Home foreclosures have tumbled to record lows as fewer borrowers fell behind on their home loan payments, but Americans are still struggling to pay off their school loans.
The Federal Reserve Bank of New York reports that 82,000 home-loan consumers saw lenders begin proceedings to reclaim their mortgaged property in the second quarter, the lowest in the 18-year history of the data.
The share of home-loan balances that were 90 or more days overdue declined to the lowest level since 2007 for mortgages and to a record low for credit card loans. Mortgage debt was $8.36 trillion, up $246 billion from last year, while student loan debt was $1.26 trillion, up $69 billion.
Sam Khater, an economist at Corelogic, a property information provider, told the Financial Times that America still faces a long pipeline of crisis-era foreclosures, but when it comes to newer mortgages the performance was “pristine.”
“The U.S. residential market is the healthiest it has been in 20 years,” he said. “It is very stable. You are seeing steady increases in house prices, steady increases in sales, and underwriting is steady … It is not suffering from the booms and busts we have had in the last two decades,” he told the FT.
Overall, total U.S. household debt hit $12.29 trillion in the second quarter, up $434 billion from a year earlier as auto loans and credit card debt increased, a Federal Reserve Bank of New York survey showed on Tuesday.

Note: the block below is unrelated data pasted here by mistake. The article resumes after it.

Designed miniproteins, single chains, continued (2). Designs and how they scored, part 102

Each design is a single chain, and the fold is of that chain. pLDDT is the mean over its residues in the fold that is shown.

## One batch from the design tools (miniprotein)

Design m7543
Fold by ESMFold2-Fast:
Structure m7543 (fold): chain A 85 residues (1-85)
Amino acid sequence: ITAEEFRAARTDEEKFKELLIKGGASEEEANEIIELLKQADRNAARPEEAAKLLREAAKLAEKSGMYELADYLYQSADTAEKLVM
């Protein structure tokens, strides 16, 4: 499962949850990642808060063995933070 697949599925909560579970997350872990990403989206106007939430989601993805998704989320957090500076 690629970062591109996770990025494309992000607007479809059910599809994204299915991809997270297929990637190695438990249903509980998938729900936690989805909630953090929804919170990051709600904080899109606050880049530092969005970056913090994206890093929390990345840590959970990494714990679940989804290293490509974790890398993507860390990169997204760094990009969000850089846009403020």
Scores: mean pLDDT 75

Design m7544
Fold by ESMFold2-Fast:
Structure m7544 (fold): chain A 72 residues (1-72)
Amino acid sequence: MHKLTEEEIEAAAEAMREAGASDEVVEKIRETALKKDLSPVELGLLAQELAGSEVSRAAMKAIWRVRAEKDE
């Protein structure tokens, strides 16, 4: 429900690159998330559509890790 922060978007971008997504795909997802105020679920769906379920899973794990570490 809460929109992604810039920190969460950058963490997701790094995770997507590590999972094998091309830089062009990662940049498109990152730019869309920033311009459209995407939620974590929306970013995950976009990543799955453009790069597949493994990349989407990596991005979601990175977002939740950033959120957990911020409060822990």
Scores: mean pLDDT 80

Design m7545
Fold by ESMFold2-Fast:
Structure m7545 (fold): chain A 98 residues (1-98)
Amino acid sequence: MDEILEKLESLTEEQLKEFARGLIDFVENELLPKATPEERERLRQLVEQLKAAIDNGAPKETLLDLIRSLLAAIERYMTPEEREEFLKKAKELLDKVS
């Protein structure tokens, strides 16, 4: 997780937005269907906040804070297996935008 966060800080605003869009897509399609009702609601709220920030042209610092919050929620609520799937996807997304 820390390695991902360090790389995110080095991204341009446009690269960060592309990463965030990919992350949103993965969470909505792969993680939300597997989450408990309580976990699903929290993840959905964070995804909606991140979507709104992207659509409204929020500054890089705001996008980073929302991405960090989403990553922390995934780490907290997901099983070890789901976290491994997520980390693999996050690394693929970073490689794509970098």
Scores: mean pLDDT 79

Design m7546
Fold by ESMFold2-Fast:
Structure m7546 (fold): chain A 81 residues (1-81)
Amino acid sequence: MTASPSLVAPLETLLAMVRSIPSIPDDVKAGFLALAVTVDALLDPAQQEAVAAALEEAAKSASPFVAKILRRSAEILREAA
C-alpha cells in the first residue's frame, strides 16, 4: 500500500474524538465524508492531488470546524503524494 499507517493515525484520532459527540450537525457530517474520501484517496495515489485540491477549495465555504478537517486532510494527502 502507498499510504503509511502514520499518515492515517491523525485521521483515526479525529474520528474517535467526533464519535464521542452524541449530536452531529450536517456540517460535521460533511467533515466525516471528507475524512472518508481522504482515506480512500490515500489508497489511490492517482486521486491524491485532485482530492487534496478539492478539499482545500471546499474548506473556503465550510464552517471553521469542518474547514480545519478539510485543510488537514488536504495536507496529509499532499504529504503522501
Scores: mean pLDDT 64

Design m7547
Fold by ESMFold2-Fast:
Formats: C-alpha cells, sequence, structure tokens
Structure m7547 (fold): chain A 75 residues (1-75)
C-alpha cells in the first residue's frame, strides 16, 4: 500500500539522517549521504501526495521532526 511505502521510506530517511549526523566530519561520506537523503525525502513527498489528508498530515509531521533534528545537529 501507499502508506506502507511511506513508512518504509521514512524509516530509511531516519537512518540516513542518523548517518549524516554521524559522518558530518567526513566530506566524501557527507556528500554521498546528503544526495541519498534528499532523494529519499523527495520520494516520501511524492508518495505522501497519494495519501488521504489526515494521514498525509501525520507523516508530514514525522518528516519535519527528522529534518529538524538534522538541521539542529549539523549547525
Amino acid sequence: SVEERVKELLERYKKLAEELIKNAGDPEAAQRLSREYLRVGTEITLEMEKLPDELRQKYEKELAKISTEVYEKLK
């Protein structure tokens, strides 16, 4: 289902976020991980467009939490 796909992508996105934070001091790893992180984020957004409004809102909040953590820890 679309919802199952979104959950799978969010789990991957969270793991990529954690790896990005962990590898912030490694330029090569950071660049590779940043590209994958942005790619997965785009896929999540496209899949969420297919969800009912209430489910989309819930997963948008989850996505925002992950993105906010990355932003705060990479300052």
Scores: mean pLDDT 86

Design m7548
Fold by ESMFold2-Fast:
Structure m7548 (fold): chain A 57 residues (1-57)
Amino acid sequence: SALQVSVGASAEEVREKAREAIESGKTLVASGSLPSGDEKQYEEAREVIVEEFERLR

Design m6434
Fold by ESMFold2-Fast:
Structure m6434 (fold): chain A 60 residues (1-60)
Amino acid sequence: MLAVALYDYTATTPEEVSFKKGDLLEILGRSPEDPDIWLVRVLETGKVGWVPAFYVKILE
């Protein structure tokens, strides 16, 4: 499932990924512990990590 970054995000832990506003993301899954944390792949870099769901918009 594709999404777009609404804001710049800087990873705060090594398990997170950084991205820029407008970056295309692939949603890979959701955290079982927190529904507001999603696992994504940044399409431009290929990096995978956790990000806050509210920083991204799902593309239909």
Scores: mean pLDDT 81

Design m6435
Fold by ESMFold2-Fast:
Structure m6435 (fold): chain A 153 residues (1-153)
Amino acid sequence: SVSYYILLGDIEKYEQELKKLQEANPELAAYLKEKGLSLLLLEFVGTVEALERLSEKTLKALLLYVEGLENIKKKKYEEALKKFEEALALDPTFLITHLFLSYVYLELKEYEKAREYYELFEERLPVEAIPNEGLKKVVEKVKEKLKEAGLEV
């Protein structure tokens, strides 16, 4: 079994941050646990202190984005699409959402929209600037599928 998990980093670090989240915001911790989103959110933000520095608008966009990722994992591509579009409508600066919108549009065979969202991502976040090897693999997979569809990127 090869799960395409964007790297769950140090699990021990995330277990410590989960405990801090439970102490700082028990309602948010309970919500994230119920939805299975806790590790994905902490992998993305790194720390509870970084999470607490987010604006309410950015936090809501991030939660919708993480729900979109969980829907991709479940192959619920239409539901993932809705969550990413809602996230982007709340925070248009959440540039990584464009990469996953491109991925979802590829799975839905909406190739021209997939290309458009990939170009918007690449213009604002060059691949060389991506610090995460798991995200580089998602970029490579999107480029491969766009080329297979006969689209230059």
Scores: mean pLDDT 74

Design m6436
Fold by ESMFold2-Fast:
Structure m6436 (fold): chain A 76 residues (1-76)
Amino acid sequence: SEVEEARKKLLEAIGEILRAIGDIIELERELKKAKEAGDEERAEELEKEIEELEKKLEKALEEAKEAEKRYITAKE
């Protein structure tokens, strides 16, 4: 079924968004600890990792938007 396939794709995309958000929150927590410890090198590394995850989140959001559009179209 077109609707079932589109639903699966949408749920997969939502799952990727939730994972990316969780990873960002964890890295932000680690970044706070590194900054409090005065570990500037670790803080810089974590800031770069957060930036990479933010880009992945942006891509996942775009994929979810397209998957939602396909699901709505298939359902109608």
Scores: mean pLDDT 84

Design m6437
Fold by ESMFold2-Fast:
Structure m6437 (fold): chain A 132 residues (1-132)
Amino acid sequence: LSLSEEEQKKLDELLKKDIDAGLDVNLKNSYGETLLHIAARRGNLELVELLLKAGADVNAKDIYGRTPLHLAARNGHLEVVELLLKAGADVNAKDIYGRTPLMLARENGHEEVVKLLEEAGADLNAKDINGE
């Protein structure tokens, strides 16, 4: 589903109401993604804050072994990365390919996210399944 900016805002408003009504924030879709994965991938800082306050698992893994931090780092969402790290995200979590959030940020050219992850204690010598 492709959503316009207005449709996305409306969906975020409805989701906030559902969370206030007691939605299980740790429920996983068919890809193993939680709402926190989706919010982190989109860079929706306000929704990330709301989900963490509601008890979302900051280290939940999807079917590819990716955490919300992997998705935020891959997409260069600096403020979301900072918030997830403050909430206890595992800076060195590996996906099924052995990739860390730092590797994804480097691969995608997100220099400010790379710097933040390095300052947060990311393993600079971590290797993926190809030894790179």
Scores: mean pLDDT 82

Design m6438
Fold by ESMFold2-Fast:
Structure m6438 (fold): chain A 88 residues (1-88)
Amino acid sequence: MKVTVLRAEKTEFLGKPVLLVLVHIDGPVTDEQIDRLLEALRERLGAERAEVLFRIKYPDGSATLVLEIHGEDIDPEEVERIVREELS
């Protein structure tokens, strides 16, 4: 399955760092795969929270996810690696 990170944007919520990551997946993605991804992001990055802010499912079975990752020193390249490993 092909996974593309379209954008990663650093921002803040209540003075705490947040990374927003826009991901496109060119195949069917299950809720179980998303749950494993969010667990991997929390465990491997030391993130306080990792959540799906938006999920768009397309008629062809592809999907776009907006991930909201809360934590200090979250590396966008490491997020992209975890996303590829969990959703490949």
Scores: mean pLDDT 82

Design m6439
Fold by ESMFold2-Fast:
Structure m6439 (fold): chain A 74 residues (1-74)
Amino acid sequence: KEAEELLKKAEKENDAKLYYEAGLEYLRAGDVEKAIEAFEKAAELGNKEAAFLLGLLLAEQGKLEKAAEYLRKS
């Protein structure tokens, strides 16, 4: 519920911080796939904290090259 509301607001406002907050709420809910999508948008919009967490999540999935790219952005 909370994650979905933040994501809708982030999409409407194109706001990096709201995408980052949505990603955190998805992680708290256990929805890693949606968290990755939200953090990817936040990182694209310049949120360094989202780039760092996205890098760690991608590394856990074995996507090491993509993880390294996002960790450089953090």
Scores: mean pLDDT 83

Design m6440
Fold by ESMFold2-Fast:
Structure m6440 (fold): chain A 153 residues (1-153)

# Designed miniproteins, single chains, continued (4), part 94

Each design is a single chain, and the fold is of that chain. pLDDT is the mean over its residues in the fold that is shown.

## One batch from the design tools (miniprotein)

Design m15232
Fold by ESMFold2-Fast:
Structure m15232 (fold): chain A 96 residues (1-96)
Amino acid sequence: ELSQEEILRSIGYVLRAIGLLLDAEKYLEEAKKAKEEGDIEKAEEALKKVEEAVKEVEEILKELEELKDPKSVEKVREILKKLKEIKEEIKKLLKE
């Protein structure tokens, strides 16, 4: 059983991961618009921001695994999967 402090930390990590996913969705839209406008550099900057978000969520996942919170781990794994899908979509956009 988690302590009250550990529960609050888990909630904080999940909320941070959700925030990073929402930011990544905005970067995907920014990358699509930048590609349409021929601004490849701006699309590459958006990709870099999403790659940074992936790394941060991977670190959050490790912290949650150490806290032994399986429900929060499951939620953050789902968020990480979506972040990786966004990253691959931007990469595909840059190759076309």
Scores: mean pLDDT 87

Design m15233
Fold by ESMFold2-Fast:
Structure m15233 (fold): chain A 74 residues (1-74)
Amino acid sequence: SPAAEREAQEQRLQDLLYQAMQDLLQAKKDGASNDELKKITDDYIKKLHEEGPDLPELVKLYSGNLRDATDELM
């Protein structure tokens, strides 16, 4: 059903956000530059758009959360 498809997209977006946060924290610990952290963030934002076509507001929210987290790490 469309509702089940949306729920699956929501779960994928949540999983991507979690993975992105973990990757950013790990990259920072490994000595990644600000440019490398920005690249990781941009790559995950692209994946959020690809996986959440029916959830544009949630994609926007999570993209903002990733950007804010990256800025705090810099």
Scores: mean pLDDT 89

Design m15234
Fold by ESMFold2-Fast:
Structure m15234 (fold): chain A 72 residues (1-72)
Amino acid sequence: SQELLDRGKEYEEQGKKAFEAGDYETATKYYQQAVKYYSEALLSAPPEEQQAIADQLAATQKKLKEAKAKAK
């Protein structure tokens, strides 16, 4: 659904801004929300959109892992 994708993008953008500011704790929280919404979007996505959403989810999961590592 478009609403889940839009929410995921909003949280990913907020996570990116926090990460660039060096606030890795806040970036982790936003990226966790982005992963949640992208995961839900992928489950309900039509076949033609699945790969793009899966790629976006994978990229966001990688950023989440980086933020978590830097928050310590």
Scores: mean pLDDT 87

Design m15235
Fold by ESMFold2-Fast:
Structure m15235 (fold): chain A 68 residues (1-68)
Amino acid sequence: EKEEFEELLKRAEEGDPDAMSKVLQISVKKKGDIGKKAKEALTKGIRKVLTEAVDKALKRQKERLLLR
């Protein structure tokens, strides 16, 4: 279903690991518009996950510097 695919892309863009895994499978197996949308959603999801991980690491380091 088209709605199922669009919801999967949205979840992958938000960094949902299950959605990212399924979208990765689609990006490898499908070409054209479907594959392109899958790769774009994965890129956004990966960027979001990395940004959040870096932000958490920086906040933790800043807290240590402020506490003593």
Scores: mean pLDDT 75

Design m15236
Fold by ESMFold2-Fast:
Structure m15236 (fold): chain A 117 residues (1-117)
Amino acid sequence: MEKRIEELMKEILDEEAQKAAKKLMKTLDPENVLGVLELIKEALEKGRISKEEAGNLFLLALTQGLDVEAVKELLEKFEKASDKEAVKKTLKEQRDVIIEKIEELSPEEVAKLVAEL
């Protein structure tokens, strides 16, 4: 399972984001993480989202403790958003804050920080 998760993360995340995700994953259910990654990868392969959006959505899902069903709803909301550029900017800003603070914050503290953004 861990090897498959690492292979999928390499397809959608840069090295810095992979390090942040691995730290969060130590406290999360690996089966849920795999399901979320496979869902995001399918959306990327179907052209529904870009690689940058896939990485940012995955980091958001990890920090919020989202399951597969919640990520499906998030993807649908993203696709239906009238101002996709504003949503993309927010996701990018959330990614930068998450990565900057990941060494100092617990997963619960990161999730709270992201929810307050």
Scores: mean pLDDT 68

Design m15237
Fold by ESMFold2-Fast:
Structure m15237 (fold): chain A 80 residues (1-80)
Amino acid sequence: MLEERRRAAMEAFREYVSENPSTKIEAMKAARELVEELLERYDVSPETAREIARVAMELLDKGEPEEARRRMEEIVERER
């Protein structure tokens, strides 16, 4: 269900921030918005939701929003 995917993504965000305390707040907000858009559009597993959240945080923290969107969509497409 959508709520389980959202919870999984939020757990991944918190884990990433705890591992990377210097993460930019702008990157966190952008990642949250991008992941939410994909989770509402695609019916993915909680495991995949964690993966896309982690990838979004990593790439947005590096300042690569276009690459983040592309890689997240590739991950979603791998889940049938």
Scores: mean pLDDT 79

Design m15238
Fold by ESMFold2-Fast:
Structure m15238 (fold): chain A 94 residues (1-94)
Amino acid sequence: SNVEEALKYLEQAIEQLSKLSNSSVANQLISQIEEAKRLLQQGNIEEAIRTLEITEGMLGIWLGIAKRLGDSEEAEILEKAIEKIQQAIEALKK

Some 4.8 percent of the outstanding debt was in some stage of delinquency, down from 5.6 percent from a year ago, according to the quarterly household debt and credit report.
Americans were struggling to pay off $1.26 trillion of student debt in the quarter, compared with $439 billion a decade earlier. The total due was higher than amounts on auto loans and credit cards.
Auto debt was $1.10 trillion, up $97 billion from a year earlier, while the aggregate credit card limit increased for the 14th straight quarter, reflecting Americans' easier access to credit as the 2007-2009 financial crisis fades.
The report also highlighted a downward trend in credit card delinquency rate — something that has been going down since the height of the financial crisis and is now nearing the low level seen in 1999-2000.
“The downward trend is consistent with the movement in credit extensions toward borrowers with higher credit scores as well as an improvement in overall economic conditions,” the New York Fed said.
The report “highlights a positive ongoing trend in household debt,” Donghoon Lee, a New York Fed economist, explained to the Wall Street Journal. “Delinquency rates continue to improve, even as credit has become more widely available.”
Meanwhile, the state with the highest number of completed foreclosures in the 12 months ending in June 2016 was Florida at 60,000, followed by Michigan at 47,000, Texas at 27,000, Ohio at 23,000 and California at 22,000. These states account for nearly 40% of all completed foreclosures nationally.
On the other hand, the area that had the lowest number of completed foreclosures was the District of Columbia at 179, followed by North Dakota at 321, West Virginia at 487, Alaska at 639 and Montana at 675.
"Mortgage loan performance depends on the economic health of local markets, with varied differences even within a state," CoreLogic Chief Economist Frank Nothaft told Hosuing Wire.
(Newsmax wire services contributed to this report).
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